*Searing in* flavour: you’re not really

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“Searing in” flavour.

This myth, persistent today, entered kitchen lore in the mid-nineteenth century thanks to German chemist Justus von Liebig, a professor at the University of Munich.

Von Liebig had a life-long interest in cookery, and, though he never wrote a cookbook, he did have an immeasurable impact on cookbook writing and food processing.

Among other research, he was certain that essential nutrients in food were lost during the process of boiling and roasting them.

The solution, according to von Liebig? Sear meat proteins at very high temperatures to form an outside crust on the meat — and “lock in” the juices.

Harold McGee debunks the myth in On Food and Cooking, but the damage had been done — and from about 1850 until today, the von Liebig principle was accepted.

Granted, we can credit the chemist with helping shift cooking philosophy and our understanding of food preparation toward the science side of things.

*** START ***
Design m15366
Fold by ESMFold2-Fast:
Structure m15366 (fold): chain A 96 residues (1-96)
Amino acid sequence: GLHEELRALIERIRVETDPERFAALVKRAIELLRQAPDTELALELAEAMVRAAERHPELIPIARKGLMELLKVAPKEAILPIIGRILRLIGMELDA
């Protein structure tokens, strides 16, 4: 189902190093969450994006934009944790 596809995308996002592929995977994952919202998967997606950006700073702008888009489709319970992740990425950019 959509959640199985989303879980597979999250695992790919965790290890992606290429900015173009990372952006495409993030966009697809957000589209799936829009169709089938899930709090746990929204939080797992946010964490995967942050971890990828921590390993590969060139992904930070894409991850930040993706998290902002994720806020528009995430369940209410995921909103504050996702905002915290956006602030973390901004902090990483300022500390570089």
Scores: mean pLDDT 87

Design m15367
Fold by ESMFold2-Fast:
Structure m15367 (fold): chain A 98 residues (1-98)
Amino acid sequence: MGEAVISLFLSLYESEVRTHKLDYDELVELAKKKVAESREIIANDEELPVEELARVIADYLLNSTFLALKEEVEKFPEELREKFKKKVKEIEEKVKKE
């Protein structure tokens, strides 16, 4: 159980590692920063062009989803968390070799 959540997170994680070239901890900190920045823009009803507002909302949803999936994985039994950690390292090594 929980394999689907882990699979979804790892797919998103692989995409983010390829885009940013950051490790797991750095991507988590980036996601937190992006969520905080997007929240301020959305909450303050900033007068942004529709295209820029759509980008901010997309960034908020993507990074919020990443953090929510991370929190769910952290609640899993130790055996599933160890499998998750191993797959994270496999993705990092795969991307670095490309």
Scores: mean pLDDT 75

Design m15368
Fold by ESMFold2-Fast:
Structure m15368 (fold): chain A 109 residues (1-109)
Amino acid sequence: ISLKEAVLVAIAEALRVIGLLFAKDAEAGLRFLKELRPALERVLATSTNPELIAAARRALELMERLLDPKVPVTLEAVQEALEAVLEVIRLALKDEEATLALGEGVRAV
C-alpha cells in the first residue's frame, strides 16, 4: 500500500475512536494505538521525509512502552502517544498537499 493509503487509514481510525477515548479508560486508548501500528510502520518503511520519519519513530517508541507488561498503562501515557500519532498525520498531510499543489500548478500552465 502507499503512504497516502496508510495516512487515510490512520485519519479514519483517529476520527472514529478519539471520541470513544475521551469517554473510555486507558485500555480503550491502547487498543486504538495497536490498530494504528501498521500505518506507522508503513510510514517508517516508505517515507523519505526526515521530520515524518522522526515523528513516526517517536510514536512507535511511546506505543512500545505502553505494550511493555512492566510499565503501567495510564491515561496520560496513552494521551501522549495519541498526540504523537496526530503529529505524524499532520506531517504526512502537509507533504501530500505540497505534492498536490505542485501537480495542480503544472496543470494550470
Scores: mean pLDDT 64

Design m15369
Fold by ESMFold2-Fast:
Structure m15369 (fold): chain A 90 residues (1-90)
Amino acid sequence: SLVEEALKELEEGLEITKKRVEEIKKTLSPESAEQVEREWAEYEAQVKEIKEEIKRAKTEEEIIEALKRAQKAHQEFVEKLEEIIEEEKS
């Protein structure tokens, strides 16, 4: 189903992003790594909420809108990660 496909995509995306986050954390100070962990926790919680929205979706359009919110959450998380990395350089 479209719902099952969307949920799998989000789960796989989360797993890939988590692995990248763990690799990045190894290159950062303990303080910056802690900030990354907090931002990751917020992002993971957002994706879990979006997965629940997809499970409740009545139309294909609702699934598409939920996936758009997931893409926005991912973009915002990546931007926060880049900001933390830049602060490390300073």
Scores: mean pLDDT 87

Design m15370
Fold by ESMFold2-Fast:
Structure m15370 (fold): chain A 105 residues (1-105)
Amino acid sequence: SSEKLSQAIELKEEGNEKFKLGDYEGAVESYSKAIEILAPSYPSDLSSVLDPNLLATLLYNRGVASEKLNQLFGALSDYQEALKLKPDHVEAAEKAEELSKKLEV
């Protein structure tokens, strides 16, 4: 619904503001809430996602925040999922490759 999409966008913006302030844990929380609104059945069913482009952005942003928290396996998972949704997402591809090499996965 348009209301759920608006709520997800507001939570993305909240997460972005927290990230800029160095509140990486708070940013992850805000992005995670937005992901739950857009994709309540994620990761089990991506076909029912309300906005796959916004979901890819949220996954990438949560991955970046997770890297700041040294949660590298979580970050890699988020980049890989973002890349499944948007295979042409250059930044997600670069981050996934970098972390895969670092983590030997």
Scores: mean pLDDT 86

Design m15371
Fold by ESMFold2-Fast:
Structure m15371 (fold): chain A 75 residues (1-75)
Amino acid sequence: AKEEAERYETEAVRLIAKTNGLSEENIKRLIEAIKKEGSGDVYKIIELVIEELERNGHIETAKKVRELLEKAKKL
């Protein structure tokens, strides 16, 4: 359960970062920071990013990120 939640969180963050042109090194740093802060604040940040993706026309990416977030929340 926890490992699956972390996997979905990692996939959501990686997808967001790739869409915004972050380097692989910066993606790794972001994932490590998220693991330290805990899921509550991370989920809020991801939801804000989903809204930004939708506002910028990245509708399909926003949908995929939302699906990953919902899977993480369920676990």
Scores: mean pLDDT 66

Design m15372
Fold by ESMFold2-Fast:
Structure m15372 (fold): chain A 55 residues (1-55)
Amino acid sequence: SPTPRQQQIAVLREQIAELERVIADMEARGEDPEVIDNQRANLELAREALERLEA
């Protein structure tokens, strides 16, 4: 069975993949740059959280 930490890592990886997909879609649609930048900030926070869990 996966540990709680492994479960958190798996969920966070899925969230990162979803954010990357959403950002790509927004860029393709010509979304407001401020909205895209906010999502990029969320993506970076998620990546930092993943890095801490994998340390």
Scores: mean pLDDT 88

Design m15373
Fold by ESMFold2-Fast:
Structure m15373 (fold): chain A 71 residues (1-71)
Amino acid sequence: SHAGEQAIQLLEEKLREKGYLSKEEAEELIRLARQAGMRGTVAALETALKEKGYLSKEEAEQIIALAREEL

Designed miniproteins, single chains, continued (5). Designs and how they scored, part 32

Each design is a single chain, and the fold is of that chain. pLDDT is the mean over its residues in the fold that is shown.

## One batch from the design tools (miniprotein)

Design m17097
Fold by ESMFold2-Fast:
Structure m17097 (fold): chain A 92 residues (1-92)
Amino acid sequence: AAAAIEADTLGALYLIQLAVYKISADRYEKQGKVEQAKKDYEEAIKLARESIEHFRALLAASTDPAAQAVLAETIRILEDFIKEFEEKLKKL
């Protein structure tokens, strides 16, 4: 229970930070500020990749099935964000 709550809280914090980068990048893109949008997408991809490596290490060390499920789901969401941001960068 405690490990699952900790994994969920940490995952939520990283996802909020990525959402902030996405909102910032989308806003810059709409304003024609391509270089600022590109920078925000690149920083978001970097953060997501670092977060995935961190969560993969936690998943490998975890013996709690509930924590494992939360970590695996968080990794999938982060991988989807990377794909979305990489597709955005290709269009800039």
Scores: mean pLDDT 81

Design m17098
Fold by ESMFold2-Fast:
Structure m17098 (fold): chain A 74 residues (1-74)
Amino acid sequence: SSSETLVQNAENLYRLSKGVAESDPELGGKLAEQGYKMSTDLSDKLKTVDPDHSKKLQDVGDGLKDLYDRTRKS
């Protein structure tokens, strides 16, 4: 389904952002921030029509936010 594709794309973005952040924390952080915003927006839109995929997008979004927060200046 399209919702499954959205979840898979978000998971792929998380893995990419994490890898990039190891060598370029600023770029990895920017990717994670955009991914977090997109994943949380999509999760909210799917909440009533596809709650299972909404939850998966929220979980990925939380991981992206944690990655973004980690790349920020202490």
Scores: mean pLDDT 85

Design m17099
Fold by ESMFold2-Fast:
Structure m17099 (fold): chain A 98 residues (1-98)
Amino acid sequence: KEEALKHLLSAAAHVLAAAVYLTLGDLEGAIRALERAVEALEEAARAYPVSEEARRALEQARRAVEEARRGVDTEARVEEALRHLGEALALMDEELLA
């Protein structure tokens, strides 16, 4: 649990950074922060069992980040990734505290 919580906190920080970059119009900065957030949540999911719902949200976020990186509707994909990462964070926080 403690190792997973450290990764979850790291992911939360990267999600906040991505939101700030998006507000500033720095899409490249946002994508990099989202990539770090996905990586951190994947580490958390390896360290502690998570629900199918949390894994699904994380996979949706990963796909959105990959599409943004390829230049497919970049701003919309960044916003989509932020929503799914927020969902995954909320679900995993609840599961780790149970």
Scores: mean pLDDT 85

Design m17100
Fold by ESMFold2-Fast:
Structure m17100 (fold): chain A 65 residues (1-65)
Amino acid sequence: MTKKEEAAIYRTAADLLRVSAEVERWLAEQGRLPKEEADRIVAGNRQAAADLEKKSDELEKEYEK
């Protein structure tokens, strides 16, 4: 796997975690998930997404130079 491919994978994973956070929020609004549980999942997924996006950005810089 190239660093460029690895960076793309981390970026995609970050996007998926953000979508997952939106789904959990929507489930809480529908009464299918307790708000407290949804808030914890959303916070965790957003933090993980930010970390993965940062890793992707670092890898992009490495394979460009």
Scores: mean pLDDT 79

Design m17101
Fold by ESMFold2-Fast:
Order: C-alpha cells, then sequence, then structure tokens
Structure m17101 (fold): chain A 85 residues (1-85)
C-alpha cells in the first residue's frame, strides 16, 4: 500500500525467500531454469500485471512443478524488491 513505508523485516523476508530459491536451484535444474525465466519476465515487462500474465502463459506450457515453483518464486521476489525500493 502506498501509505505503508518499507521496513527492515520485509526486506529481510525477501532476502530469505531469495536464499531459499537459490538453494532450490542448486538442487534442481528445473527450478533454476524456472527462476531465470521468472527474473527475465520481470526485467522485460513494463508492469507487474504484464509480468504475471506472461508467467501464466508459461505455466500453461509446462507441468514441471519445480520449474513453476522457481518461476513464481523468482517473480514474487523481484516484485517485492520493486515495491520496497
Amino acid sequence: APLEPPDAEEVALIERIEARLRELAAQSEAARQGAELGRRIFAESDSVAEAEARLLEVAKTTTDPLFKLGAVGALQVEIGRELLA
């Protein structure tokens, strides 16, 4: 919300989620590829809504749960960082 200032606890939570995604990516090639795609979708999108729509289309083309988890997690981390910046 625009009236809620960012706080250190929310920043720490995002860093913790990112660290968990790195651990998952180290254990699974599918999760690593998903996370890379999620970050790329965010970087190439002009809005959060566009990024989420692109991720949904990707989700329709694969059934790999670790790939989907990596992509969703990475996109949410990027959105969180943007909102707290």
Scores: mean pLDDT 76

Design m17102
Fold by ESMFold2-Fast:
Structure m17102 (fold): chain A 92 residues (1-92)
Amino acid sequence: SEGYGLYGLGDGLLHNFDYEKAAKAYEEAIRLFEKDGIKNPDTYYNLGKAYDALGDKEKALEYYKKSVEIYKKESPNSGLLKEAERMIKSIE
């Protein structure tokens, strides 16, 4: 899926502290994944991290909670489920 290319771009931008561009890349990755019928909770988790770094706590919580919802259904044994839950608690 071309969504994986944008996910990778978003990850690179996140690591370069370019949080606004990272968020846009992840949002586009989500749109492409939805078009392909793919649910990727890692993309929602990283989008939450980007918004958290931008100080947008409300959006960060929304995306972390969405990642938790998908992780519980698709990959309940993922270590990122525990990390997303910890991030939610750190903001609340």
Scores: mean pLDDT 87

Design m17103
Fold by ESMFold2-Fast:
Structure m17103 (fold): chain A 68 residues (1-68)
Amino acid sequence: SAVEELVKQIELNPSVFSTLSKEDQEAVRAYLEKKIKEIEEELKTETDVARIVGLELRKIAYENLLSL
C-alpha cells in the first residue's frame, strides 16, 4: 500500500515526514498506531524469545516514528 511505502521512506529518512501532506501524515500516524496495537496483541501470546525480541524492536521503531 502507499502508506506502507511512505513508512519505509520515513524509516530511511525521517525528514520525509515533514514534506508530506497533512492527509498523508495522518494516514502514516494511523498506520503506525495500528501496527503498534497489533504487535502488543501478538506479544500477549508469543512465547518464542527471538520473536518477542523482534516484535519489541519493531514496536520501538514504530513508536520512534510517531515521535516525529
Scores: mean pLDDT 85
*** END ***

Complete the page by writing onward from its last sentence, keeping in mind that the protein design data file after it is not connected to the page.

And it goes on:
Searing a food — drawing on what is known as Maillard reactions — does give it added flavour, but it does not “lock in” moisture.

McGee pretty effectively explains the myth, and it is something you can test for yourself. When next searing a steak in nice heavy cast-iron pan before bunging it in the oven to finish, have a listen: the sizzling sound you hear, McGee explains, is moisture is leaving the ribeye and more or less continuously being burned off by the heat of the pan.

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